Sir, Father, Dad, Pop, Papa, Pa or any number of loving nicknames; later in life, he may be referred to by his first name. Regardless of the name he will always be remembered.
My Father has long ago passed away. I still miss him, even though we rarely saw eye to eye on many topics. His greatest gift to me was in choosing to be a father. His ways were strict, as he grew up in a much more restrictive society than that in which I was reared. After all, my formative years were the 50s and 60s. He was tough, but he taught me to be an honest, hardworking man with a sense of loyalty and duty to the community and respect for others. Fairness was a byword in our home and generosity was not something to be avoided but rather a means of giving back to the community.
He never showed me how to fly a kite; throw a ball; ride a bike. But he did show me how to pick myself up after I fell; how to ask a girl on a date; how to waltz; and, how to compete. He wasn’t a sports fan until later in his life but he did teach me how to swim, fish, row a boat and how to golf. He taught me to laugh at myself before I laughed at others. Above all else he taught me to be true to myself.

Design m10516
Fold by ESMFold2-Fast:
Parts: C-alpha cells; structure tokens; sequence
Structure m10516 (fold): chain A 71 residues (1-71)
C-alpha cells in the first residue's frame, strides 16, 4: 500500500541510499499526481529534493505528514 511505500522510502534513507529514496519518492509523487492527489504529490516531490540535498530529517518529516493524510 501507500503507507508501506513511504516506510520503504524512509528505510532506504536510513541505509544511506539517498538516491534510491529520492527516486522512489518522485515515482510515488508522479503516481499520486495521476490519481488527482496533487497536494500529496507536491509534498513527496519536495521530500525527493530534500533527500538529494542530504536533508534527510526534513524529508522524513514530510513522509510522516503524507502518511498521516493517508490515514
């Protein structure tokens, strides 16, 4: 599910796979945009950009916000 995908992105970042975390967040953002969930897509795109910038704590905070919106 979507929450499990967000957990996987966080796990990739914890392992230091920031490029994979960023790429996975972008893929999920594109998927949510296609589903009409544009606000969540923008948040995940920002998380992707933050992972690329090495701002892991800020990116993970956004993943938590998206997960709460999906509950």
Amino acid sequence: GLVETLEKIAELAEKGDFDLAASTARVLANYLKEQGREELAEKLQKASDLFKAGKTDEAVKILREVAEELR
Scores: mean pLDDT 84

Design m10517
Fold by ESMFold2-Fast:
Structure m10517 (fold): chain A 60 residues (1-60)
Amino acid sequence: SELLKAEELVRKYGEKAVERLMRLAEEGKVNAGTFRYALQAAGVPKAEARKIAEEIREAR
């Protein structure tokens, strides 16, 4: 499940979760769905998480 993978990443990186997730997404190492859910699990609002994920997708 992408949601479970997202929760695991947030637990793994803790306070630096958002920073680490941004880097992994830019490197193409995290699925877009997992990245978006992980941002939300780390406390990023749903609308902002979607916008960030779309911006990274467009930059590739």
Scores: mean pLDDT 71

Dad loved us all and his strength of character and devotion to our Mother were beacons lighting the path we should follow. When it came time to strike out on our own his support gave us the encouragement to leave the nest. Later along the road of life he demonstrated his love by being there to provide his wisdom. He used to talk of the struggles his parents went through in the early part of the last century and then how he and my Mother made tough decisions throughout their loving marriage of 58 years. These stories were always received with a sense of wonder and amazement as we learned of the sacrifices he had made for his family – for us.
In a way that is what being a Father is all about – sacrifices; not necessarily forced on men but chosen, elected, in order to provide a better home life for the family. Its hard to imagine the thought process a father goes through in deciding to lead his family halfway around the world to settle thousands of kilometres from their birthplace – and all for the love and desire of a better life. That’s the same story virtually every family can recount.
The Rotary Club of Chestermere has organized an Ultimate Fathers’ Day BBQ to take place at Camp Chestermere from 11 AM to 2 PM. Music, food, boat rides, motorcycles, hot air balloon rides, kids games and a silent auction. I’ll remember my Father all day long by being with my grandkids. See you there.